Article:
Energy efficiency programs in the Philippines are directed by the Department of Energy and guided by an Energy Plan that currently covers the period from to Renewable Electricity Action Plan — More radical strategies are needed — and we need to work on them now Read more. Living with climate change: How to cope in a warmer world Feeding and housing a growing human population when seas are rising and extreme weather hits will be hard — but manageable if we take the right decisions now Read more.

Living with climate change: You can make a difference With climate change, individual behaviour does matter. Living with climate change: Convincing the sceptics Global warming is real, and global warming is here. Its past is long and dramatic and its future shrouded in mystery. Yet despite centuries of research, only now are we starting to understand Earth's complexity.

NEWS Sweden commits to becoming carbon neutral by with new law A popular new plan makes Sweden the first country to significantly upgrade its carbon targets since the Paris agreement Read more. This is no doubt going to have a devastating impact upon future cities, towns, agricultural areas and freshwater resources located near coastal regions.

The Centre for Remote Sensing of Ice Sheets has some detailed images available of the areas of the globe most threatened by sea level rise. With this geological mayhem scheduled to take place over the next several thousand years, the decisions that we are making read: not making in the present take on a new light. Clearly we need to expand the time scale with which we assess the full implications of the climate crisis beyond the current century.

Instead, the temperature control will be locked in and all life forms on Earth will be pressured to adapt for thousands of years. The climate change-driven ecological destruction that we are witnessing today — immeasurable loss of human life, plant and animal species caused by natural disasters such as floods, droughts, wildfires and heat waves, the disappearance of vast snow caps, glaciers and almost half of the Arctic — is the result of a mere 0. We can only imagine what a further 1.

It belongs to neither a particular individual nor a particular nation. Nor does it belong to a single generation such as us, our children or our grandchildren. Instead, it belongs to all living creatures both alive now and in the future. Yet the political and economic institutions of our civilisation are fixated on enjoying the present and unable to account for the consequences of our actions on tomorrow.

This may be all too easily observed in our financial behaviour, where individuals, corporations and governments are forever borrowing from the future in order to improve the present. In the same way, the fossil fuelled party of our capitalist global civilisation is in the midst of a financial and ecological borrowing frenzy from the future. And not only are the spoils of our mastery over nature enjoyed by only a minority of the planet, but in geological terms, they are being consumed within an extremely short time-span. In a crisis of modernity that could also be re-interpreted as one of ethics and values , how should we reframe our choices and actions in the present, in light of tomorrow?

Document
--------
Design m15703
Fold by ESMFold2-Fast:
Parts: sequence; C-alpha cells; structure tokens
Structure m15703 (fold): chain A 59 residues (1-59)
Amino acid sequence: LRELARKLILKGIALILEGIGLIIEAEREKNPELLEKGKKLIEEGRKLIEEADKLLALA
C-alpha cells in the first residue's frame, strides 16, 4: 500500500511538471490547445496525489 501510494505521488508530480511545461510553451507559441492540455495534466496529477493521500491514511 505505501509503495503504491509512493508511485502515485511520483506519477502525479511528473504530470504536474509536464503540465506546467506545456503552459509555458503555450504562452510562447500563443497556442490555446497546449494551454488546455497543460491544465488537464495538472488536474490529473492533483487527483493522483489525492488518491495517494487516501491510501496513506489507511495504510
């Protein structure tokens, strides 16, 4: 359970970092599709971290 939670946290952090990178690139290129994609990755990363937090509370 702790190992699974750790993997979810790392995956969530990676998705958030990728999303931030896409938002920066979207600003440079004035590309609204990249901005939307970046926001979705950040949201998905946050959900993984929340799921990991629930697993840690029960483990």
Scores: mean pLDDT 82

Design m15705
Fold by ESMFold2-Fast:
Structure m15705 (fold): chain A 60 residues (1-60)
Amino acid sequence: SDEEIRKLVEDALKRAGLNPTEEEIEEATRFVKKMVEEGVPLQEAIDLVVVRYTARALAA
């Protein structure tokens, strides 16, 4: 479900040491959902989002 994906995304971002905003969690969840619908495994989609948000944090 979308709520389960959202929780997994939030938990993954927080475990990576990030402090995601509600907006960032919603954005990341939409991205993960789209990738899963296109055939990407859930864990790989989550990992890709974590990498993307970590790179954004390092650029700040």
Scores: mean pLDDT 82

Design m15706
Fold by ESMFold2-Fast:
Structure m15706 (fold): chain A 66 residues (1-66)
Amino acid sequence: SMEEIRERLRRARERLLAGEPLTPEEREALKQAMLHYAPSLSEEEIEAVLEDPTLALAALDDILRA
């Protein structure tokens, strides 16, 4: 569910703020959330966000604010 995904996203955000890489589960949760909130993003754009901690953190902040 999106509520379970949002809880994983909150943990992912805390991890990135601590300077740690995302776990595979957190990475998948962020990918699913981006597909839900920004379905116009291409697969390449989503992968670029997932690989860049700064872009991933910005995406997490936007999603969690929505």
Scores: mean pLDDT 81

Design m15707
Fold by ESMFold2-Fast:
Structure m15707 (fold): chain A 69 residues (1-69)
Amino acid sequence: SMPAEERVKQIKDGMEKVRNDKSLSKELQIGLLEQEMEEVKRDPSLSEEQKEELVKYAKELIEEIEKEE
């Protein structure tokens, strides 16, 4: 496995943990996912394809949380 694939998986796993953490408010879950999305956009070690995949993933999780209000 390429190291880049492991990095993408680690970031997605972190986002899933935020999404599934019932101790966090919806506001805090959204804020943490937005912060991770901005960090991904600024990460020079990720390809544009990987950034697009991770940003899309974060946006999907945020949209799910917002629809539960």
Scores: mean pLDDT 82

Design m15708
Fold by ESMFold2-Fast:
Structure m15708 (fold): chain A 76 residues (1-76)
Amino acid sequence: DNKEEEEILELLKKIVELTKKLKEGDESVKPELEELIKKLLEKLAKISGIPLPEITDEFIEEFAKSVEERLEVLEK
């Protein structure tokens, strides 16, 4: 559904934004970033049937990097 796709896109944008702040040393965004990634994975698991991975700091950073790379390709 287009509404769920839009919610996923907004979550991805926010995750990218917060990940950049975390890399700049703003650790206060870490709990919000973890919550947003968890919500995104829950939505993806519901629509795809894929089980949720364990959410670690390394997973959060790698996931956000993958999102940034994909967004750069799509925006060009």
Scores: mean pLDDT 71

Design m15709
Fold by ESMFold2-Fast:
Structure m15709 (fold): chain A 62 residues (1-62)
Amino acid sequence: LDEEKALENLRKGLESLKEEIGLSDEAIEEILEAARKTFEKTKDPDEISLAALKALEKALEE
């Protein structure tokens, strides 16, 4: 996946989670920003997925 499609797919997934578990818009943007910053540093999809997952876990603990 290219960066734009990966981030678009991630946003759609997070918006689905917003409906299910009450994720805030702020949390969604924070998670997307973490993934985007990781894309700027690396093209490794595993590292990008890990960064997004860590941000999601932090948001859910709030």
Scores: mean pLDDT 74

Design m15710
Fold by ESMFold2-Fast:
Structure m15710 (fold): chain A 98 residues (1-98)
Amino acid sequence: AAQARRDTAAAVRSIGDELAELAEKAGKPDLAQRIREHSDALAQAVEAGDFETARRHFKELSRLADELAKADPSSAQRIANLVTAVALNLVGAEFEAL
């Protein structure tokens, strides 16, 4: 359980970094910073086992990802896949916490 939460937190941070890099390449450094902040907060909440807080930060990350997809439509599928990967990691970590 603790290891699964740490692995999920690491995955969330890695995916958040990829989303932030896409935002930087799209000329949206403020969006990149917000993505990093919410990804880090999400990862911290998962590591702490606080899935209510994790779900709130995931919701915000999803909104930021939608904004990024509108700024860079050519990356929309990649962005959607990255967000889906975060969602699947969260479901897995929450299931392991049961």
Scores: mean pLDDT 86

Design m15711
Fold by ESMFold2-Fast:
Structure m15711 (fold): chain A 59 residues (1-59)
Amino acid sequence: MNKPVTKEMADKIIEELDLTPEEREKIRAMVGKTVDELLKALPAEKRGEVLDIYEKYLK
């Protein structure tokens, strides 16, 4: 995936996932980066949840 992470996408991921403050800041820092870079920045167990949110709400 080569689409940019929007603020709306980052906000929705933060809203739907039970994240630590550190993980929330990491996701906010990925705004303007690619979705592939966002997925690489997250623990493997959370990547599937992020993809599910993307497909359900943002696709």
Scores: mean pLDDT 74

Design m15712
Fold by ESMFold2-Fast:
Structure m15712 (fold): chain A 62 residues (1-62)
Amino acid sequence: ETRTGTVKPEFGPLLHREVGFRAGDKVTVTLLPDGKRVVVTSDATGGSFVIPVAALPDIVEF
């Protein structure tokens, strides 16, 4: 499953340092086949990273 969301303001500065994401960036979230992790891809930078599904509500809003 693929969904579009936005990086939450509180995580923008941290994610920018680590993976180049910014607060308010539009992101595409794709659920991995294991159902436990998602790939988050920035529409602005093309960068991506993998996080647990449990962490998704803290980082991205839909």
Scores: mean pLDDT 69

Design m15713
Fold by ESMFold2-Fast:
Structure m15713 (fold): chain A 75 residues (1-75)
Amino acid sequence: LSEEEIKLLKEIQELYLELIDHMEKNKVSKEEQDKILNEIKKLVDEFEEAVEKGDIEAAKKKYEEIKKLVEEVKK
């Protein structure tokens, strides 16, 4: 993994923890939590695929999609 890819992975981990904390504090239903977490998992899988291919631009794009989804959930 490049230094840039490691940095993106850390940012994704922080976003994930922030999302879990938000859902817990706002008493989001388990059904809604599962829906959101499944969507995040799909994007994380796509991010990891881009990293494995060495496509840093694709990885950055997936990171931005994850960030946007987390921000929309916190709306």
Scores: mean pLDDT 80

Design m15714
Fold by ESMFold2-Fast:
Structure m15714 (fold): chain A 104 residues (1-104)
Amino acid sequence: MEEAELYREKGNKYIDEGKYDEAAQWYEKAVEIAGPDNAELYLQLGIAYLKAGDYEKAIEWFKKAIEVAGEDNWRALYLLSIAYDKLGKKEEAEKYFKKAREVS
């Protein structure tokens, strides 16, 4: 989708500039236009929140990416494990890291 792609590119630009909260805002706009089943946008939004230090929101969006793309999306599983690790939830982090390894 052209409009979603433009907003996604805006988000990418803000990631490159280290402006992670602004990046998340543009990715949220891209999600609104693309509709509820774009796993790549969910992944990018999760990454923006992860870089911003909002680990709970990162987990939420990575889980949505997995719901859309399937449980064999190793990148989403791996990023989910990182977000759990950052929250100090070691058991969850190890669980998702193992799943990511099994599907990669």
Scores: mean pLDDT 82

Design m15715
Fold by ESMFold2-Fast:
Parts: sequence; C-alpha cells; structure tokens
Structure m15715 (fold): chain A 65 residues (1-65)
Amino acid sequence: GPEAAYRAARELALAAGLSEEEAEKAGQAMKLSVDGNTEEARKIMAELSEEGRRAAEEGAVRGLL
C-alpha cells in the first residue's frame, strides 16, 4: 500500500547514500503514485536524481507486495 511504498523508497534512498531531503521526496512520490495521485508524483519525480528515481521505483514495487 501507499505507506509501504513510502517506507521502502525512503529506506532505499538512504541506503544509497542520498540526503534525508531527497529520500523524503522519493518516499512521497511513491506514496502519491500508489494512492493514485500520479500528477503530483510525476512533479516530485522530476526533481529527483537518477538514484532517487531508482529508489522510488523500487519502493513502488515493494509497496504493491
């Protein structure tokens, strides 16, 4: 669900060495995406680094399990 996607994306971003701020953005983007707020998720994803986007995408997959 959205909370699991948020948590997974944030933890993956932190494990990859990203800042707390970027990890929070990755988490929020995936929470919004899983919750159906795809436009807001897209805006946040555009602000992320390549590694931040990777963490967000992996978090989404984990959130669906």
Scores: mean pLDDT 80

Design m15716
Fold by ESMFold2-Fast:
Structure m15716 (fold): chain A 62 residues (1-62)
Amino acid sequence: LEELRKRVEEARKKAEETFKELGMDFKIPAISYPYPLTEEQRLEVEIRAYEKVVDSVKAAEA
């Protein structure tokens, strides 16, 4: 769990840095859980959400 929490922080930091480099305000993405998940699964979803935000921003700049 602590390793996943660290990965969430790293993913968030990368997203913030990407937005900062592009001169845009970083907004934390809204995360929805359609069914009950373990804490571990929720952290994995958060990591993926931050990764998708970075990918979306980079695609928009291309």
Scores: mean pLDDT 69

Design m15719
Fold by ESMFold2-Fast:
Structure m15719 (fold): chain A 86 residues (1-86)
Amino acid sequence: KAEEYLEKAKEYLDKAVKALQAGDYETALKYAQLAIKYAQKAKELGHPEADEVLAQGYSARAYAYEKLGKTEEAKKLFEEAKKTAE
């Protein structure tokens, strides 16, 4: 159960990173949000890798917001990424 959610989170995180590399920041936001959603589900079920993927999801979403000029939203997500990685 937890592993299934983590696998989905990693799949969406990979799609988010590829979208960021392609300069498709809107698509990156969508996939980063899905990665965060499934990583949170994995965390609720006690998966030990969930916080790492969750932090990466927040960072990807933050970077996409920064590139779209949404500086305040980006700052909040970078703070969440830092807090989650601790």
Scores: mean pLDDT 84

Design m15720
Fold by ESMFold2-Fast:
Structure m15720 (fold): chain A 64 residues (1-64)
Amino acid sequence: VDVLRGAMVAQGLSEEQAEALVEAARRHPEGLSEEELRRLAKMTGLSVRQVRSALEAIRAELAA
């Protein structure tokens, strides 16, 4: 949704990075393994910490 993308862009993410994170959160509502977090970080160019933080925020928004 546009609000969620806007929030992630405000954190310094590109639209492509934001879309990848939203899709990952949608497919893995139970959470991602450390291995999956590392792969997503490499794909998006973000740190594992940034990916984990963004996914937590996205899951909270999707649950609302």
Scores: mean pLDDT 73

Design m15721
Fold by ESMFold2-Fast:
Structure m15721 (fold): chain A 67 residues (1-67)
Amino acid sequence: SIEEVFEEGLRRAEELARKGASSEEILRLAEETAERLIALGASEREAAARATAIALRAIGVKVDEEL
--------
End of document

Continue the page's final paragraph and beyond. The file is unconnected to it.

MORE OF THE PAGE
Surely it is just a matter of standing in the shoes of all future citizens and asking ourselves what sort of planet they would like to live on. Surely our descendants, hundreds and thousands of years into the future, would wish for, and have a right to, the same stable climate and ocean levels that have allowed the attainment of such an advanced and flourishing civilisation today.

It is none other than this consideration for future human beings and other life forms that should form the yardstick by which we set our mitigation targets — not merely what is politically and economically feasible for the industrialised world today. Climate Change: What Happens after ? He is currently researching the potential of research universities to address the climate and sustainability crisis as part of a Ph.

He is also director of the Environmental Learning Institute , a climate change educational initiative for Japanese businesses and corporations. This article deserves to be widely read — and deeply absorbed into our individual and collective consciousness. Thanks to you both for leaving your valuable comments. To tell the truth, I kind of feel terrible for writing an article that has such a dark message at its core: that whatever the mitigation efforts of future generations, the carbon legacy of our brief passage on Earth is going to plague the wellbeing of billions and dramatically alter the geography of the globe.

My position is simply that we act after we grasping the truth, and the whole truth. For some good news about hardware, I recommend this German film, which I am going to see on Thursday.